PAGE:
She is well known for her phrase “I want my money back” (September 1979). Indeed, the corrective mechanism did not solve the British contribution. As Tindale ironically puts it, the phrase “was loved – keeping money from French farmers goes down particularly well in the UK!” Then, tuff negotiations started and led to the agreement on the British rebate (1984). It is a mechanism to balance the costs and benefits from the EEC, since the main part of the Community budget was spent on the CAP at that time and that the UK, a rich country, was contributing a lot but not benefiting much from the CAP. The conception of “we pay for what we gain” has since been a constant feature of European negotiations.

Margaret Thatcher also firmed the Single European Act, which created the Single Market and extended qualified majority voting (QMV) in the Council (thus reducing possibility of veto by one country). Margaret Thatcher wanted European integration to create a large market without borders, and the British Commissioner Lord Cockfield, who was very close to Thatcher, was in charge of preparing the Single Market. But, to the President of the Commission, Jacques Delors, in order to achieve a Single Market, institutional reforms were needed to avoid the inefficiency of consensus. He managed to convince Thatcher to accept the extension of the QMV and to recognise the need for the 300 harmonisation directives in order to remove technical barriers to trade. She is the British Prime Minister who allowed Europe to move forward to more political integration and toward the Maastricht Treaty.

Eurosceptic Tories and pro-European Labour? 1990s

As for the economic and monetary union, Thatcher and her successor John Major were isolated in their refusal for more economic and political integration, not managing to build alliance and compromise among the Council. John Major agreed for an opt-out option for the single currency and social matters, but it epitomised the British isolation. The ratification of the Maastricht Treaty was not an easy piece to go for Major, who had to have two different discourses in Brussels and in Westminster.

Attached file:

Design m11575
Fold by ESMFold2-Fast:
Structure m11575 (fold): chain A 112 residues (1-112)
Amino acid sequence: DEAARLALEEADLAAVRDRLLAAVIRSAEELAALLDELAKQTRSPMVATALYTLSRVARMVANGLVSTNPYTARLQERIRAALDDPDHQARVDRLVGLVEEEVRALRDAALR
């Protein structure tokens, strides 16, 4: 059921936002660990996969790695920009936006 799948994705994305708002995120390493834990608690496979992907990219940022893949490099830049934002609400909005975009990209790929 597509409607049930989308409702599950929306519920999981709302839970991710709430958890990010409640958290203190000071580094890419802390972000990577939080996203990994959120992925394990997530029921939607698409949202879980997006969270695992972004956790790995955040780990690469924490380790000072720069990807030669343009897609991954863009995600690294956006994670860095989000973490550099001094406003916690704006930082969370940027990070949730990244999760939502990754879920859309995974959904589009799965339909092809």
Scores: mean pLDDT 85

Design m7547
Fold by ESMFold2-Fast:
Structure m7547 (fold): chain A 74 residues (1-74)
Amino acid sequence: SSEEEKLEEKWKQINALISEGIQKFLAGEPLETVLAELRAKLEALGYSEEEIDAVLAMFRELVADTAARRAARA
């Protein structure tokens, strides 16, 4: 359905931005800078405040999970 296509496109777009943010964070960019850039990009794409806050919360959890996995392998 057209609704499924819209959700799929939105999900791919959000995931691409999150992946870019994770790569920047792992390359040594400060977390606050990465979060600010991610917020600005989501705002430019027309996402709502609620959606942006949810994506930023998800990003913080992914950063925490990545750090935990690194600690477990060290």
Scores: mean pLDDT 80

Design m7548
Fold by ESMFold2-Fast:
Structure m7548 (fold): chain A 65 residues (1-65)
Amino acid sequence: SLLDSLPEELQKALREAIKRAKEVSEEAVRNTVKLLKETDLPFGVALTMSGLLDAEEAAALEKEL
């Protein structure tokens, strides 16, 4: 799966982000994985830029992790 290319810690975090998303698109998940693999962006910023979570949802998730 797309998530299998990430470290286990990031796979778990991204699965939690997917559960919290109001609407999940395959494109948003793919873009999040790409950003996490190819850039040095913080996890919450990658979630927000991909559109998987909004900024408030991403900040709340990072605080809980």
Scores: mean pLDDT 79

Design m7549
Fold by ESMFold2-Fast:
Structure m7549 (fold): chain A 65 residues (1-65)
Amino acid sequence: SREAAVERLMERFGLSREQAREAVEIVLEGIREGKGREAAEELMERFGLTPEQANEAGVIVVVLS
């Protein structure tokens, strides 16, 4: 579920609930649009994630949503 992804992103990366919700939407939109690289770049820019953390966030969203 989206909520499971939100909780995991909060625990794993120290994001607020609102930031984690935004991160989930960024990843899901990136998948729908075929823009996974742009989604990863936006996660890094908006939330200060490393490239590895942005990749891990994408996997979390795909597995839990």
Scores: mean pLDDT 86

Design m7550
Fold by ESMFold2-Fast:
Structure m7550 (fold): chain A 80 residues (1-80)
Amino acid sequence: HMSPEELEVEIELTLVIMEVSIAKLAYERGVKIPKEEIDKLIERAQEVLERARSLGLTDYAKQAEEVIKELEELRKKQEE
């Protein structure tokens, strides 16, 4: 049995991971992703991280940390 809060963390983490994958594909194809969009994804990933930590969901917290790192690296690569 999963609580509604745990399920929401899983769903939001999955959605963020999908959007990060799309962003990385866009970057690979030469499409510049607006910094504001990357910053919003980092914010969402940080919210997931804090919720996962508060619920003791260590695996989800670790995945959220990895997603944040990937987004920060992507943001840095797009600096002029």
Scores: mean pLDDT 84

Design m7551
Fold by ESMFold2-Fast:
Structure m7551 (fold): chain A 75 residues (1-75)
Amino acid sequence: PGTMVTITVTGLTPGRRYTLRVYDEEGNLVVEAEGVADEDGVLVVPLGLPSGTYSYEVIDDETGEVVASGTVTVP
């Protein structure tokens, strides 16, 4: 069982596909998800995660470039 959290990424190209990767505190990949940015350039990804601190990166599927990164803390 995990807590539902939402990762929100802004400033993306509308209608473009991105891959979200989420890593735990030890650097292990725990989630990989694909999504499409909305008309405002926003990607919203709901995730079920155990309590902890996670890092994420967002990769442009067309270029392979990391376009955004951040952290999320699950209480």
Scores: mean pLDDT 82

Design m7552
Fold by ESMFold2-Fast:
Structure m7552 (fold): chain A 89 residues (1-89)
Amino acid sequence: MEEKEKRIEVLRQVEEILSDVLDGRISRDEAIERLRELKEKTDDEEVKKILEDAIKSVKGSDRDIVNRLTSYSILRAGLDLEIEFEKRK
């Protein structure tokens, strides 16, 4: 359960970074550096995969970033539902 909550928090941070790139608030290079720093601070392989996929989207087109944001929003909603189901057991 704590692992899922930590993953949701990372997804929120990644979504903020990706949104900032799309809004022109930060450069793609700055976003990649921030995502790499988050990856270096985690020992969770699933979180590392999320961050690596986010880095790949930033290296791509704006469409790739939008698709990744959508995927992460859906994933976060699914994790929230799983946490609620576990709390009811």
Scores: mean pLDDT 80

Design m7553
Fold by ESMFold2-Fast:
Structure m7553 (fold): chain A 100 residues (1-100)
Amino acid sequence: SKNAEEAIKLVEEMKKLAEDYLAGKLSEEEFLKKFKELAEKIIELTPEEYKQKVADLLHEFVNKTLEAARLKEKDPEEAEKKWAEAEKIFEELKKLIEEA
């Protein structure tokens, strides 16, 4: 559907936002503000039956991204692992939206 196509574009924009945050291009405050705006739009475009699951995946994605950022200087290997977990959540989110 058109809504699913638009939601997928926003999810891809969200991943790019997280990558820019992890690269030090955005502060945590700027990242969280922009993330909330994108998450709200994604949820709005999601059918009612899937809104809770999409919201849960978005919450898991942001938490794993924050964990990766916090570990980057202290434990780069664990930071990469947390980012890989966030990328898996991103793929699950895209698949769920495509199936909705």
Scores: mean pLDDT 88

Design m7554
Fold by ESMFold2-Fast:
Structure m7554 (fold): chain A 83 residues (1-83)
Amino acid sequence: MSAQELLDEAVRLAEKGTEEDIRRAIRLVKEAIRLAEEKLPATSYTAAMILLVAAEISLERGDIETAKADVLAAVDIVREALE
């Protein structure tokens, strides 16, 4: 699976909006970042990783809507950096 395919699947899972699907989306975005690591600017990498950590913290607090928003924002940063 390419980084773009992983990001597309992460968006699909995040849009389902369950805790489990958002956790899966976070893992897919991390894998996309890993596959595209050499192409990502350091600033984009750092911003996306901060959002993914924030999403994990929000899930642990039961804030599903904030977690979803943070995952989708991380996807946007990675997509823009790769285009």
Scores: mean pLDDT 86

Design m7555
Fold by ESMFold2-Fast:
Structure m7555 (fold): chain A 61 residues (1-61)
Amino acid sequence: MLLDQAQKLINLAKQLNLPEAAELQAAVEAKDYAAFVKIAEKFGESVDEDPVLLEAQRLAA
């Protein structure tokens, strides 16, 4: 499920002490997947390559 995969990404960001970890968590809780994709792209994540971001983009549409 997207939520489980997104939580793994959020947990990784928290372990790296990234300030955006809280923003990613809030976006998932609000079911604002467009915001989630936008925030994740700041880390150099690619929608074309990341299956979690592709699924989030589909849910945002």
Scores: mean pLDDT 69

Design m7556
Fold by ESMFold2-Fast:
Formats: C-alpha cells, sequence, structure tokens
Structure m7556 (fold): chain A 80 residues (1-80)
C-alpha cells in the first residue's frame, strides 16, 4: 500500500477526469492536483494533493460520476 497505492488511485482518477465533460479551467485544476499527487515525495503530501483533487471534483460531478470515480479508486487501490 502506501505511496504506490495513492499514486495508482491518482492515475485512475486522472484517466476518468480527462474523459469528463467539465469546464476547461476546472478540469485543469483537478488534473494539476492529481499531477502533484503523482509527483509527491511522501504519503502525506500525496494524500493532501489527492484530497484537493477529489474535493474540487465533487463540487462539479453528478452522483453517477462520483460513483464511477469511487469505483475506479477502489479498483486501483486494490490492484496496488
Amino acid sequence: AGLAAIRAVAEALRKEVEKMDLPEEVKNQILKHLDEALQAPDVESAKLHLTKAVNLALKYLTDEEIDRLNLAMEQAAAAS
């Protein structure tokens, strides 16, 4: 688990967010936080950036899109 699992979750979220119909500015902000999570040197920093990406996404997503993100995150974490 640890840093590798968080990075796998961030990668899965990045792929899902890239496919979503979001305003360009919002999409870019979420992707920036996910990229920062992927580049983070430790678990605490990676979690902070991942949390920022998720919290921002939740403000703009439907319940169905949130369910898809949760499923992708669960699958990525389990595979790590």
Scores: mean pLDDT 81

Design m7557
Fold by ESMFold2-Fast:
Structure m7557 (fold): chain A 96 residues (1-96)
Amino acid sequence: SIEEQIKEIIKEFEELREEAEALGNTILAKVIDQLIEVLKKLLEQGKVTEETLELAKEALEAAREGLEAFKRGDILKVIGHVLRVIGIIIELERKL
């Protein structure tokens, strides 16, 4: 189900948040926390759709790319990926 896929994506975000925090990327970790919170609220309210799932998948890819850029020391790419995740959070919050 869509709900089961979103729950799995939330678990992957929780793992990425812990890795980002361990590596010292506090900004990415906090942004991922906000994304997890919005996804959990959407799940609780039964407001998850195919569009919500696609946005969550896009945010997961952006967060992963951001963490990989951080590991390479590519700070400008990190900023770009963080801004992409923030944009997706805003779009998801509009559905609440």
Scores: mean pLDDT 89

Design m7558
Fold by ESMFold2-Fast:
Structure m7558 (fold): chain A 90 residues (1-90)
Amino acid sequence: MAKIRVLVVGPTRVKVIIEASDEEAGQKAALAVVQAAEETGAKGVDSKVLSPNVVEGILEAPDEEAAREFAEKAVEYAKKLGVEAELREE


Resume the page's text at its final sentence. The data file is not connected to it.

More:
The Tories, in Margaret Thatcher’s legacy, were increasingly against European integration. To them, the EU was becoming more and more federal taking sovereignty and national identity away from British. Some Eurosceptic Tories were against the ratification of the Maastricht Treaty. They voted with the Labour against Major, who had to ask for a second vote the day after; a vote of confidence. Major manage to win the majority on the European matters, but it exposed the beginning of divisive lines within the Tories. However, the Prime Minister hosted the European council in Birmingham and in Edinburg in 1992. Several difficulties were overcome there and the UK managed to build up alliances with its European partner. It announced the shift in Britain’s position in EU negotiation that was to occur with Blair.

To sum up this long article, we observe constant theme and antagonism along history. Common Agricultural Policy, British contribution to the budget and political integration has been frequent conflicting topics in the relations between the UK and the EU. However, actors position has changed. Labour were rather anti-European at the beginning and Tories in favour; it is now the contrary that is true. This historical overview allows understanding the context in which the debate is occurring currently.

Synthesis of Olivi, B. & Giacone, A., 1998, L’Europe difficile, La construction européenne, Paris : Gallimard, Folio Histoire.